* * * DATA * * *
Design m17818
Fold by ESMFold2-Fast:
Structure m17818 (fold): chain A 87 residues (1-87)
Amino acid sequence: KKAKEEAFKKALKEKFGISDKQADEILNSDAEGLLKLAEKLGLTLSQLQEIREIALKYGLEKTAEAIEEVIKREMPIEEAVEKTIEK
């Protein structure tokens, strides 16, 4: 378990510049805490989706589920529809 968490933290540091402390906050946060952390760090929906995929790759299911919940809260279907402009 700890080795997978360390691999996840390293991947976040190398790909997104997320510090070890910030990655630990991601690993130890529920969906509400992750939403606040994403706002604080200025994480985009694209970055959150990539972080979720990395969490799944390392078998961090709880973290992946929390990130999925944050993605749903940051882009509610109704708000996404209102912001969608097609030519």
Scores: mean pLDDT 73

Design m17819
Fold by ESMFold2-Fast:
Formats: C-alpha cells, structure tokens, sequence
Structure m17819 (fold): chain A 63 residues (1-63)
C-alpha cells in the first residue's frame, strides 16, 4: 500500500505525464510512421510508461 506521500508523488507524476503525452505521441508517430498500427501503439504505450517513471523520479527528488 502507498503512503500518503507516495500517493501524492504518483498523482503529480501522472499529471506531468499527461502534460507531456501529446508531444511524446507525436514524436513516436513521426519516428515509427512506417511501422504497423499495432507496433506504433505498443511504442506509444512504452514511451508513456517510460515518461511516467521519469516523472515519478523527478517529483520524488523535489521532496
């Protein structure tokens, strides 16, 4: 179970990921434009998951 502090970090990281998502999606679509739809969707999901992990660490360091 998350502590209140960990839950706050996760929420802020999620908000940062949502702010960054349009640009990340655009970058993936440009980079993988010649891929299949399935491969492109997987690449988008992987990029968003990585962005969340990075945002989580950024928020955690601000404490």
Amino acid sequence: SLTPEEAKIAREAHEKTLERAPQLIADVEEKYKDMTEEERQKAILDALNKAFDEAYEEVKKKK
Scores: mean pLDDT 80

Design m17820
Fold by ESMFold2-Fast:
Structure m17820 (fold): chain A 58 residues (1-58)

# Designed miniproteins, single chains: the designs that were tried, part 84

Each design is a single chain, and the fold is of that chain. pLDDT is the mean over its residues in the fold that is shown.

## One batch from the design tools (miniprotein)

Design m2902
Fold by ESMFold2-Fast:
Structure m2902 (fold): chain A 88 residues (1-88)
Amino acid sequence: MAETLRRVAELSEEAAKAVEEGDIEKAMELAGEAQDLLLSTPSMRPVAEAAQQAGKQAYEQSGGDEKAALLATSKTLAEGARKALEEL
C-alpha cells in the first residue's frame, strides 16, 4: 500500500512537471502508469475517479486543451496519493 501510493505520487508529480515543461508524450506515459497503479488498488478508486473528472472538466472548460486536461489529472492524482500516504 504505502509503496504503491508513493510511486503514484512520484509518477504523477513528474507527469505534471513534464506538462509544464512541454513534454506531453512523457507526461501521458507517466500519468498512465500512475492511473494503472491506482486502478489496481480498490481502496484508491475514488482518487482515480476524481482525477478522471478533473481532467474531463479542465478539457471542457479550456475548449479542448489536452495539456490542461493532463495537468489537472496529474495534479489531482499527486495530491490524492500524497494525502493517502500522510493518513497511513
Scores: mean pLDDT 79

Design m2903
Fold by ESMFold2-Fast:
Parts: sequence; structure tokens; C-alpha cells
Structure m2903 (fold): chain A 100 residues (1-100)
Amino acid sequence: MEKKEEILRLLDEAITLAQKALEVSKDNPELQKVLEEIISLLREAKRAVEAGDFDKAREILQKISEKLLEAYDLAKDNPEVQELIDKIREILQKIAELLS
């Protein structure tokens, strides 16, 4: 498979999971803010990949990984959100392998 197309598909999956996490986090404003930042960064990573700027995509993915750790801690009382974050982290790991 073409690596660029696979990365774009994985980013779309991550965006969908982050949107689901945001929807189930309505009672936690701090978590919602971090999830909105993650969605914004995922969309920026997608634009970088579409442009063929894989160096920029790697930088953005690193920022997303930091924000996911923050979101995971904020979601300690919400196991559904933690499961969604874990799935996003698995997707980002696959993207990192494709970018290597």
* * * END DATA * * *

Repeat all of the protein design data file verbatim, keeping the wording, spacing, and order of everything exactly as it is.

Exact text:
Design m17818
Fold by ESMFold2-Fast:
Structure m17818 (fold): chain A 87 residues (1-87)
Amino acid sequence: KKAKEEAFKKALKEKFGISDKQADEILNSDAEGLLKLAEKLGLTLSQLQEIREIALKYGLEKTAEAIEEVIKREMPIEEAVEKTIEK
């Protein structure tokens, strides 16, 4: 378990510049805490989706589920529809 968490933290540091402390906050946060952390760090929906995929790759299911919940809260279907402009 700890080795997978360390691999996840390293991947976040190398790909997104997320510090070890910030990655630990991601690993130890529920969906509400992750939403606040994403706002604080200025994480985009694209970055959150990539972080979720990395969490799944390392078998961090709880973290992946929390990130999925944050993605749903940051882009509610109704708000996404209102912001969608097609030519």
Scores: mean pLDDT 73

Design m17819
Fold by ESMFold2-Fast:
Formats: C-alpha cells, structure tokens, sequence
Structure m17819 (fold): chain A 63 residues (1-63)
C-alpha cells in the first residue's frame, strides 16, 4: 500500500505525464510512421510508461 506521500508523488507524476503525452505521441508517430498500427501503439504505450517513471523520479527528488 502507498503512503500518503507516495500517493501524492504518483498523482503529480501522472499529471506531468499527461502534460507531456501529446508531444511524446507525436514524436513516436513521426519516428515509427512506417511501422504497423499495432507496433506504433505498443511504442506509444512504452514511451508513456517510460515518461511516467521519469516523472515519478523527478517529483520524488523535489521532496
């Protein structure tokens, strides 16, 4: 179970990921434009998951 502090970090990281998502999606679509739809969707999901992990660490360091 998350502590209140960990839950706050996760929420802020999620908000940062949502702010960054349009640009990340655009970058993936440009980079993988010649891929299949399935491969492109997987690449988008992987990029968003990585962005969340990075945002989580950024928020955690601000404490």
Amino acid sequence: SLTPEEAKIAREAHEKTLERAPQLIADVEEKYKDMTEEERQKAILDALNKAFDEAYEEVKKKK
Scores: mean pLDDT 80

Design m17820
Fold by ESMFold2-Fast:
Structure m17820 (fold): chain A 58 residues (1-58)

# Designed miniproteins, single chains: the designs that were tried, part 84

Each design is a single chain, and the fold is of that chain. pLDDT is the mean over its residues in the fold that is shown.

## One batch from the design tools (miniprotein)

Design m2902
Fold by ESMFold2-Fast:
Structure m2902 (fold): chain A 88 residues (1-88)
Amino acid sequence: MAETLRRVAELSEEAAKAVEEGDIEKAMELAGEAQDLLLSTPSMRPVAEAAQQAGKQAYEQSGGDEKAALLATSKTLAEGARKALEEL
C-alpha cells in the first residue's frame, strides 16, 4: 500500500512537471502508469475517479486543451496519493 501510493505520487508529480515543461508524450506515459497503479488498488478508486473528472472538466472548460486536461489529472492524482500516504 504505502509503496504503491508513493510511486503514484512520484509518477504523477513528474507527469505534471513534464506538462509544464512541454513534454506531453512523457507526461501521458507517466500519468498512465500512475492511473494503472491506482486502478489496481480498490481502496484508491475514488482518487482515480476524481482525477478522471478533473481532467474531463479542465478539457471542457479550456475548449479542448489536452495539456490542461493532463495537468489537472496529474495534479489531482499527486495530491490524492500524497494525502493517502500522510493518513497511513
Scores: mean pLDDT 79

Design m2903
Fold by ESMFold2-Fast:
Parts: sequence; structure tokens; C-alpha cells
Structure m2903 (fold): chain A 100 residues (1-100)
Amino acid sequence: MEKKEEILRLLDEAITLAQKALEVSKDNPELQKVLEEIISLLREAKRAVEAGDFDKAREILQKISEKLLEAYDLAKDNPEVQELIDKIREILQKIAELLS
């Protein structure tokens, strides 16, 4: 498979999971803010990949990984959100392998 197309598909999956996490986090404003930042960064990573700027995509993915750790801690009382974050982290790991 073409690596660029696979990365774009994985980013779309991550965006969908982050949107689901945001929807189930309505009672936690701090978590919602971090999830909105993650969605914004995922969309920026997608634009970088579409442009063929894989160096920029790697930088953005690193920022997303930091924000996911923050979101995971904020979601300690919400196991559904933690499961969604874990799935996003698995997707980002696959993207990192494709970018290597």